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    Gretchen Cover on #216986

    I think my three arrangements add measures for an introduction because all have the the part for Ave Maria.

    emily-mitchell on #216987

    Andelin: Listen to it again to hear what Bach composed when you play the prelude as a solo. (Even his wife’s (Anna Magdalena) Klavierbüchlein (1725) does not include this measure.) As I explained to Gretchen, there are lots of arrangements of the Prelude in C, Bk 1. Often they are loosely based on Bach’s manuscript. The Schwenke that includes this measure is a copy not an autograph. It was felt that Bach left something out because the base line wants to progress upwards by half steps. When it makes a skip, it feels like something is wrong, but this is the genius of JS Bach not to do what is expected.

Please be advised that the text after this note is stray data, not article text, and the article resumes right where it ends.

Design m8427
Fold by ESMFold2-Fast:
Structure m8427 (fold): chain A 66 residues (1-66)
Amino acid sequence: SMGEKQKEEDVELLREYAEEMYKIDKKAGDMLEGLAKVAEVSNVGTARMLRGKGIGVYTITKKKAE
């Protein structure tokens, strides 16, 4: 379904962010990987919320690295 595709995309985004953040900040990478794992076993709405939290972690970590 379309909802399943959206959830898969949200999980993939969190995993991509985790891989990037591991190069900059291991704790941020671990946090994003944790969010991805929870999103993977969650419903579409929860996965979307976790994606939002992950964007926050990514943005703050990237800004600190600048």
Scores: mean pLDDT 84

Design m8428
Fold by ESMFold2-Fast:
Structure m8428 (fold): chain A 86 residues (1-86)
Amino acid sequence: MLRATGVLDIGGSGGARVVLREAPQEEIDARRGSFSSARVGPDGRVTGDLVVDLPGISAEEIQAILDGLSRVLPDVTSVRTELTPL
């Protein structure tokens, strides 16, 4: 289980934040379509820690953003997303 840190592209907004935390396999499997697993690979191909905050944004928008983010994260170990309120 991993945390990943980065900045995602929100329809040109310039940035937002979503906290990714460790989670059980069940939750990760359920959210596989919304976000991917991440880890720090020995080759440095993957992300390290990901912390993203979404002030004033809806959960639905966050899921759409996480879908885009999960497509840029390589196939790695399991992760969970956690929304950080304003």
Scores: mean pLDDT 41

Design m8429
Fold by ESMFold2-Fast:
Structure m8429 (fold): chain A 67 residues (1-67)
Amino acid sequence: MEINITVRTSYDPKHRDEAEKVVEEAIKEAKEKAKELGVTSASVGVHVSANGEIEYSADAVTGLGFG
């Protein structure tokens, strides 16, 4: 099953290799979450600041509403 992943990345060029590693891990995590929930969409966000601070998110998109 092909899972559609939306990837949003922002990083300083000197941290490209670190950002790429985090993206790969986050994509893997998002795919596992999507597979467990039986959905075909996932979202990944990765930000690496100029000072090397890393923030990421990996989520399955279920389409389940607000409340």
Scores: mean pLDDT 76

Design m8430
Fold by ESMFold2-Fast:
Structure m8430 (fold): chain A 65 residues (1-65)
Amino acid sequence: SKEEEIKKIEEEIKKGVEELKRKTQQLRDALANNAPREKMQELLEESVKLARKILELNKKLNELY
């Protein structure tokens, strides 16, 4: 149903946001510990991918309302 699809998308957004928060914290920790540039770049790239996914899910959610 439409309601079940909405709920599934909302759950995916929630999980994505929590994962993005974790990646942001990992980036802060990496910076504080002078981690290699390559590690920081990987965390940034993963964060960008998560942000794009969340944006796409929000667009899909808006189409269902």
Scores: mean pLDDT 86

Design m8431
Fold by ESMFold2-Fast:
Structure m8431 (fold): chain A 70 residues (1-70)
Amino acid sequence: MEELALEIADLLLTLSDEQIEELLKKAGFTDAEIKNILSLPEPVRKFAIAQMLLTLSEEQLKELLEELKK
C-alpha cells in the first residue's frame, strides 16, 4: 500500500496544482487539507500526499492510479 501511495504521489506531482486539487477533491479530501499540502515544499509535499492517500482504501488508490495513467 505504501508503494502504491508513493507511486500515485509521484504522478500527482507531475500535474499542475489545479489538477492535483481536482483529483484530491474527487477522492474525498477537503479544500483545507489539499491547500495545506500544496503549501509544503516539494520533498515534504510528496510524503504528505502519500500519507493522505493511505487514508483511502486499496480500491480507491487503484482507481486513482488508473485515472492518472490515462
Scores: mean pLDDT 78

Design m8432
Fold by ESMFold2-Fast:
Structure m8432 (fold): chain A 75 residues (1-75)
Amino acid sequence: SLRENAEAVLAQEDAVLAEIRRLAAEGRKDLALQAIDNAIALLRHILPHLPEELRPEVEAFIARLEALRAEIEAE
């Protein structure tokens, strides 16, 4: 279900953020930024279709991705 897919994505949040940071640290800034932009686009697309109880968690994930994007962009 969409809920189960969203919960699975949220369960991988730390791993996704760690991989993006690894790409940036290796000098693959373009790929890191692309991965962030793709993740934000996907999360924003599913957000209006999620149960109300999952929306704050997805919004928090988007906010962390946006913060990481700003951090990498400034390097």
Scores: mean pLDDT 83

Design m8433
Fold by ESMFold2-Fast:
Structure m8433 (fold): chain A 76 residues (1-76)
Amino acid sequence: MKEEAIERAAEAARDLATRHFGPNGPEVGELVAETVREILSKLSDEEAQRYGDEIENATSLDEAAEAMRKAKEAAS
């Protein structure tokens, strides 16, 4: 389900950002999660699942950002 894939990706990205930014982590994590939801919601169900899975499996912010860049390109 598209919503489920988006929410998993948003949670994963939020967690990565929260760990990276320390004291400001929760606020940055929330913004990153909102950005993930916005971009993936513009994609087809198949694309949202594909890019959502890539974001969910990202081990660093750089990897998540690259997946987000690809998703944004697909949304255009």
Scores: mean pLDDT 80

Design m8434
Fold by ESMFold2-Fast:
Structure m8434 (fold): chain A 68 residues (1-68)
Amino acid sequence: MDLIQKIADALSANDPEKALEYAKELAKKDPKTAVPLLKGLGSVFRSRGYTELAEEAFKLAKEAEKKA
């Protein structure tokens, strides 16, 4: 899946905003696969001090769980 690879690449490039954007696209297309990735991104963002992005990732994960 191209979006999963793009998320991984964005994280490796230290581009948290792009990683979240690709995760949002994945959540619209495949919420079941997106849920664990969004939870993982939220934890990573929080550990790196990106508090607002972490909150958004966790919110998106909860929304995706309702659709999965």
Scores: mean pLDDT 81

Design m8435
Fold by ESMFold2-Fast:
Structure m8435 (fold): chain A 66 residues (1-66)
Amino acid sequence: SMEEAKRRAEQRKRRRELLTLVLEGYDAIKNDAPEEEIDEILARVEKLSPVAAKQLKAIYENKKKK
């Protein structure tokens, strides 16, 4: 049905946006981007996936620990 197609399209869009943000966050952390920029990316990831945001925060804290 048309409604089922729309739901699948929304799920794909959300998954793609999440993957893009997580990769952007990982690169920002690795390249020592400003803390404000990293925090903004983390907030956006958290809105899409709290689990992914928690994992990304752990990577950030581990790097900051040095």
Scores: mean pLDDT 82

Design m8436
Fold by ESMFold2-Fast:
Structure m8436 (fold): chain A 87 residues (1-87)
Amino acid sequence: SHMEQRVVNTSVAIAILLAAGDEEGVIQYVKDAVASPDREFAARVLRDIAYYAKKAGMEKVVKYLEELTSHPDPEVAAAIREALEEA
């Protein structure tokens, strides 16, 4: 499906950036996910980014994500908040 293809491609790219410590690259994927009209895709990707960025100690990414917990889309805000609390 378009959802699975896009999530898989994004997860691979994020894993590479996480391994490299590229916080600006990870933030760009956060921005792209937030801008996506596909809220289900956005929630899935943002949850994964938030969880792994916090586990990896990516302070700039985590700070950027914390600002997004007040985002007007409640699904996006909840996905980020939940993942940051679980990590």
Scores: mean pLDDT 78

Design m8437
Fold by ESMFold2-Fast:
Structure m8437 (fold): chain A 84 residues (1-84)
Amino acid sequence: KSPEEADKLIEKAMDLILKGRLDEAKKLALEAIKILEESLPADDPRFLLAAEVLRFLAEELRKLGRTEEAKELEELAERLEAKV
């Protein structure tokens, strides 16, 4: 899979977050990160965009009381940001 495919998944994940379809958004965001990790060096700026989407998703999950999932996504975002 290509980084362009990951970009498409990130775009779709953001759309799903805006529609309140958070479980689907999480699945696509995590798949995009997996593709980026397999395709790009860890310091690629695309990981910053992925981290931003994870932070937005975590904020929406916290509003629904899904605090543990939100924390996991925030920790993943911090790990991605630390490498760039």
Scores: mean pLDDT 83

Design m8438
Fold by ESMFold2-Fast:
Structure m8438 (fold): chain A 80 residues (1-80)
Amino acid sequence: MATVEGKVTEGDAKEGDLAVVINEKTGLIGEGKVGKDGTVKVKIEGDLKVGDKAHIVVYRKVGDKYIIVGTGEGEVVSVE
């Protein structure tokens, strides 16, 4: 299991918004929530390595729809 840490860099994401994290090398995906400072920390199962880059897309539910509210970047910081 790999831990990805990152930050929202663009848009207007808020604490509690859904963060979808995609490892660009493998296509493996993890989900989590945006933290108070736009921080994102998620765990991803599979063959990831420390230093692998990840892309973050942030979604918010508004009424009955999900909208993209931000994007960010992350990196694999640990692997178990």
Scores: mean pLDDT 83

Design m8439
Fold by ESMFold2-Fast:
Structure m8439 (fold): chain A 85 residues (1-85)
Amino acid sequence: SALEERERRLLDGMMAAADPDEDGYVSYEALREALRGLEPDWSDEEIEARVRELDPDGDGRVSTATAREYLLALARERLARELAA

Harpist use enharmonics to divide the pedaling between the feet. I don’t use an enharmonic in M12 because I get the C# in the previous measure with my left foot, and then the Bb as written also with the left foot, but you could use an A# for the Bb with the right foot, and get the C# with the left foot. In M22, I use a Gb for the F# with the right foot, and a D# for the Eb with the left. Likewise in M28. I use a D# for the Eb with the left foot, and my right foot gets the F#. If you are not comfortable using both feet at the same time, you can play as written, but you may lose time trying to accomplish pedaling with only one foot. This prelude is for more advanced players because the pedaling is chromatic.

    emily-mitchell on #216988